Unless you have been living in the woods for the past several decades, you likely have heard of Central Maine’s North Pond Hermit. Author Michael Finkel has written a book about the North Pond Hermit called “The Stranger in the Woods: The Extraordinary Story of the Last True Hermit.” Mr. Finkel will share his new book at a free book launch event on Thursday, March 9, 2017. All are invited to attend. From 5p-6p that evening, join the author at a reception in Waterville City Hall, 1 Common Street, Waterville, ME 04901. The reception is sponsored by the Colby College Center for the Arts & Humanities and will include free light refreshments by the Last Unicorn. Beginning at 6p in the Waterville Opera House, Mr. Finkel will then give a presentation that will include photographs, video clips, as well as a question and answer session. The author will sign books immediately following this presentation. This event is free, but tickets are required. Free tickets can be picked up at any Bull Moose location or at the Waterville Public Library, 73 Elm Street, Waterville, ME 04901. Books can be pre-ordered at any Bull Moose location. Books will also be available for purchase at the event.

This event is presented by the Waterville Public Library, Bull Moose, and publisher Alfred A. Knopf. Event partners are the City of Waterville, Maine, Waterville Opera House, Colby Center for the Arts and Humanities, Mid-Maine Chamber of Commerce, and Waterville Creates!. For more information about the event, please visit the Waterville Public Library web site at www.watervillelibrary.org or email librarian@watervillelibrary.org.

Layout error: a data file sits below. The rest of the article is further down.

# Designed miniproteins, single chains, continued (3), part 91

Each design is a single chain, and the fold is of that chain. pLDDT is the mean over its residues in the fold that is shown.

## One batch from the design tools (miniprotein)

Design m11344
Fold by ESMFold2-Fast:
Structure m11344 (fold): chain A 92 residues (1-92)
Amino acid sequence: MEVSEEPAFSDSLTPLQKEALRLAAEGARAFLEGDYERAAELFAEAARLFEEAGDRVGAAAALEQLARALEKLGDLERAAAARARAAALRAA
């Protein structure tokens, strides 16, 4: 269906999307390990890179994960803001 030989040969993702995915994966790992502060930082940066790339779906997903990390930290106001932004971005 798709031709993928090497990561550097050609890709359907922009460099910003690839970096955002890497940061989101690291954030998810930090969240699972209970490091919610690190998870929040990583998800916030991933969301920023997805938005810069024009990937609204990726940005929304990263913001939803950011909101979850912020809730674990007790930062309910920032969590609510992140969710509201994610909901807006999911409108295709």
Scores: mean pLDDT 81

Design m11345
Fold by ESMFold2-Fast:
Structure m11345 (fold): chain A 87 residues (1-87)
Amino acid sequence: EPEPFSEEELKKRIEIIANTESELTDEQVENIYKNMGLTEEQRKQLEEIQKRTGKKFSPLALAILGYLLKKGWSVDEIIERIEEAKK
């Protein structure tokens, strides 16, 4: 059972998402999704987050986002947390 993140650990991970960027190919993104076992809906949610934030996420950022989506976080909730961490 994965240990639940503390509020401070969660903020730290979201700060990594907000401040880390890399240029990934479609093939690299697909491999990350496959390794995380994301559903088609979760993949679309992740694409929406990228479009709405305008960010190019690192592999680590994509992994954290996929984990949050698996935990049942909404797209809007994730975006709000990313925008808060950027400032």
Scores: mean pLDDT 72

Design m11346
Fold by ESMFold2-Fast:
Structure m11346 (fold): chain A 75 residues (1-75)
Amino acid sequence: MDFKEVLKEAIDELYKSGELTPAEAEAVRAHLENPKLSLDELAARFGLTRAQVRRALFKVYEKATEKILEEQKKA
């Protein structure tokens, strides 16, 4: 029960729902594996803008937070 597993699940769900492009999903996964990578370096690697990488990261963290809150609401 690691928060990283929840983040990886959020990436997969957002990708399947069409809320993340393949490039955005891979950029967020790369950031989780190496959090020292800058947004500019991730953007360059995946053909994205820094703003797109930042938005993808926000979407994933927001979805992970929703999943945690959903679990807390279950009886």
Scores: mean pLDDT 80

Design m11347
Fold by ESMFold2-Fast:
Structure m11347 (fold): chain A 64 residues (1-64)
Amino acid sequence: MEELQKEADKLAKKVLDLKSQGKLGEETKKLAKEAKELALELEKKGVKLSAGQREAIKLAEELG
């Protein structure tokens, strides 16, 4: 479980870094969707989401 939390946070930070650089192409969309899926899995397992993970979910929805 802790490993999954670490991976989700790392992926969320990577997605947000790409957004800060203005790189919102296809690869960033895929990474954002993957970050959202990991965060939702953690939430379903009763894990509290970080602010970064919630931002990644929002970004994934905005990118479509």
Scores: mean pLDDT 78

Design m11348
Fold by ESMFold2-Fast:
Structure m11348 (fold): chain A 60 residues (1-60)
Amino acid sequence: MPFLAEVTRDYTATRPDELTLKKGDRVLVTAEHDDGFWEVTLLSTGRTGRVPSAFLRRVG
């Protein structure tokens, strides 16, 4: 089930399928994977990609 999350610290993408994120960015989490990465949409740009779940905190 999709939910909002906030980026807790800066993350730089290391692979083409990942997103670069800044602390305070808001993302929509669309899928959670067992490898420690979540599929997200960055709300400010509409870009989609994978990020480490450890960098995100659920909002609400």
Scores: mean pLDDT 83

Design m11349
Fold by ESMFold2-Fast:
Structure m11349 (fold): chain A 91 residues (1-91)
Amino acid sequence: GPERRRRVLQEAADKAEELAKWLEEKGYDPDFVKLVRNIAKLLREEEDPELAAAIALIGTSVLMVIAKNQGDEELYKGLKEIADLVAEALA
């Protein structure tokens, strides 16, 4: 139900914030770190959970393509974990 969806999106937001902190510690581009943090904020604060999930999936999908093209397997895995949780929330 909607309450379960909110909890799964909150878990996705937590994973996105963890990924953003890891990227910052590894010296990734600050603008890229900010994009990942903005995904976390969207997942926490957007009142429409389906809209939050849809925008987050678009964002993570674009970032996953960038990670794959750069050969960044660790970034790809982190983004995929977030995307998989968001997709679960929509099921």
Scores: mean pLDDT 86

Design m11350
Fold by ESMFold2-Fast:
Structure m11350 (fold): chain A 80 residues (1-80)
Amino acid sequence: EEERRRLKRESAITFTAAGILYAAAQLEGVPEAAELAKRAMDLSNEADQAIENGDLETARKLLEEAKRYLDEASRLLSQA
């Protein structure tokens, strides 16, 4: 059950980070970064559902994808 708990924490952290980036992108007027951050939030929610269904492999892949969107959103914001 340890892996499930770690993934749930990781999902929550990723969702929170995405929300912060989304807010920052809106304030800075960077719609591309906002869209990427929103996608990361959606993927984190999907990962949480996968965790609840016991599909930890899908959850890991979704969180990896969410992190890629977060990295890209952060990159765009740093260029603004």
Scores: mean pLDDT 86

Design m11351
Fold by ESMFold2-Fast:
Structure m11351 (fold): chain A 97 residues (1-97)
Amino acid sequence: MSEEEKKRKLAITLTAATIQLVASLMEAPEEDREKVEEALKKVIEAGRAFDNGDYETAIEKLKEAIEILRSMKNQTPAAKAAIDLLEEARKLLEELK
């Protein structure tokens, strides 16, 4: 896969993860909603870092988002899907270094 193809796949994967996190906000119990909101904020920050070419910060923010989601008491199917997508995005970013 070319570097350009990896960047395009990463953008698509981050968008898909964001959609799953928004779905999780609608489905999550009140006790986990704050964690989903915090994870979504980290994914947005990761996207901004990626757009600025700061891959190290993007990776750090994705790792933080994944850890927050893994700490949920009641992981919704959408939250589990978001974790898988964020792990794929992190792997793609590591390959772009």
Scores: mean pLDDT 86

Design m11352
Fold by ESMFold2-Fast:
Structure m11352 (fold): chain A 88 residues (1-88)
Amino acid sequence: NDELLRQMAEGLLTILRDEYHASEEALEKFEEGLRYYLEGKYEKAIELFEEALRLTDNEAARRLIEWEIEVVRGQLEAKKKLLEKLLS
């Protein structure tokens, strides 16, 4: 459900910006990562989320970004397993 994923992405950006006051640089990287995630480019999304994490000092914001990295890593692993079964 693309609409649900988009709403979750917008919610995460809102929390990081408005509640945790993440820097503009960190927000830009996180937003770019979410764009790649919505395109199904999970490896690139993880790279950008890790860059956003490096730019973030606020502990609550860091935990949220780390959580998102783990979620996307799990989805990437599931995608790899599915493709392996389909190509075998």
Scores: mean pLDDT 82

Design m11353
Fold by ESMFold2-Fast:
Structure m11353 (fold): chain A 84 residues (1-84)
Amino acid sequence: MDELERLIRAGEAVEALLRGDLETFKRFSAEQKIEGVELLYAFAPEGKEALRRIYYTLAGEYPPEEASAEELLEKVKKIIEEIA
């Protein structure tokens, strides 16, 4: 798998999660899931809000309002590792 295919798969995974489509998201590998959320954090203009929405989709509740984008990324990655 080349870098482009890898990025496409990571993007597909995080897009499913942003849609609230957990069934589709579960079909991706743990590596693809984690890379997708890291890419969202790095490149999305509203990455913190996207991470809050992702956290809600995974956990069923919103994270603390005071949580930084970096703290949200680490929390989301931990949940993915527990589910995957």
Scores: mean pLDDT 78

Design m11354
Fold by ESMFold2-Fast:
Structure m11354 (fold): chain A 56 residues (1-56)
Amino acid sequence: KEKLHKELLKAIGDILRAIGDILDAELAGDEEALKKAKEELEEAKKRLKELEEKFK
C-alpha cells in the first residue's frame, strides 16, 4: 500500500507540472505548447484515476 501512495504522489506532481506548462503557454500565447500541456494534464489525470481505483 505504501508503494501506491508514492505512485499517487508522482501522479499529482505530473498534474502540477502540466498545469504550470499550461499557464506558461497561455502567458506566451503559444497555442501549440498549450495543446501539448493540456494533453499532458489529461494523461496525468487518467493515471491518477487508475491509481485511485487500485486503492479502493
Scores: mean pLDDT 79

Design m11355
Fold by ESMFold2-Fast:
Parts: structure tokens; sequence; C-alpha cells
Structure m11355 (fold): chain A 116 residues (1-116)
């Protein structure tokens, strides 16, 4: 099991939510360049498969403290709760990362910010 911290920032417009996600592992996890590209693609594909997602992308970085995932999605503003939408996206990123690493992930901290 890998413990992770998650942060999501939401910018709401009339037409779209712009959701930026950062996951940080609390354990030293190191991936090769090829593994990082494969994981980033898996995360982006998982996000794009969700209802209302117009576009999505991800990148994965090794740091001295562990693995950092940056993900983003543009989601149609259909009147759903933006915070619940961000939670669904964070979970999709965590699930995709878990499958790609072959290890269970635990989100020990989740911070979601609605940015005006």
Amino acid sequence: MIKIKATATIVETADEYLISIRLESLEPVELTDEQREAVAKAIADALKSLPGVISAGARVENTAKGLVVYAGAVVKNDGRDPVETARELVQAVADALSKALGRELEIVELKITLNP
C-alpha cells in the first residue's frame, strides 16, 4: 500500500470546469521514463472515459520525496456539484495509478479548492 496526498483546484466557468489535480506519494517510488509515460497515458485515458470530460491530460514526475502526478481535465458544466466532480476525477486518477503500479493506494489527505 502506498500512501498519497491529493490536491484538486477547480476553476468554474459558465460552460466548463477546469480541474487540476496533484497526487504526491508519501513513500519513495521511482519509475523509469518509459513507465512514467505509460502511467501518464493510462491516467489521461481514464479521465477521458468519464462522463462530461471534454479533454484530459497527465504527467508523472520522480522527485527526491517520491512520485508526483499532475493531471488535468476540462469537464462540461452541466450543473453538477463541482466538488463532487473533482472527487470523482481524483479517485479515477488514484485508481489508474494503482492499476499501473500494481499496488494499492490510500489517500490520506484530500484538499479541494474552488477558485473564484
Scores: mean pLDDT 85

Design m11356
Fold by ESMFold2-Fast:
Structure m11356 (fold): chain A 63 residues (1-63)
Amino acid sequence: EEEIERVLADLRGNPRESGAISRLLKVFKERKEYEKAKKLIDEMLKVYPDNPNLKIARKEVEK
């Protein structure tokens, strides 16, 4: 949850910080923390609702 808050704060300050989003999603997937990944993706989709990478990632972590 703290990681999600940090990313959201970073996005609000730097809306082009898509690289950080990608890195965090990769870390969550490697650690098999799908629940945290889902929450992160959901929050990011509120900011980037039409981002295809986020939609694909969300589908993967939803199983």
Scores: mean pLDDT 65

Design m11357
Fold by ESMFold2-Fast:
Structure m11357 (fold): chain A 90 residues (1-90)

March 10-11
The Opulence of Integrity
A movement odyssey exploring the life and legacy of Muhammad Ali
7:30pm, Strider Theater

The Spring Dance Concert features guest artist Christal Brown’s company in The Opulence of Integrity and Residents of Infinite Space; an Honors Thesis by Senior Theater and Dance Major Kathryn Butler. Butler’s multi-phased and multi-faceted work takes a complex look at collaborative creative processes both in person and via mediated experience, and this project merges the research of multiple student choreographers and performers into a new work showcasing her signature athleticism that fascination with differently trained bodies in pragmatic puzzle-solving. Inspired by boxing’s outspoken superstar Muhammad Ali’s career as a boxer and life as a social activist, public martyr, and human being, The Opulence of Integrity deploys eclectic movement and multiple media to illustrate the turmoil of a life infused by divinity yet misinterpreted by humanity. By using Ali as an archetype, The Opulence of Integrity explores the struggle for identity for men of color in the United States with an intimate and expansive look at social, economic, and spiritual trappings that prohibit freedom.


March 13
Revolutionary Connections
Film Screening: Passage at St. Augustine—Bishops Wives and a Black Community Confront Segregationist Violence
7pm, Lovejoy 100

529654726“Passage at St. Augustine” establishes America’s Oldest City as home to the most violent Civil Rights campaign of the entire Movement. Viewers are transported back to this unlikely Florida tourist town to hear first-hand from civil rights foot soldiers, Klansmen, journalists, clergy, politicians and the like, who fought on the front lines of the 18-month battle that led directly to the passage of the landmark Civil Rights Act of 1964. Despite MLK and LBJ headlining the film’s real-life cast, most come away asking why a campaign so pivotal appears to have been wiped from the hard drive of History.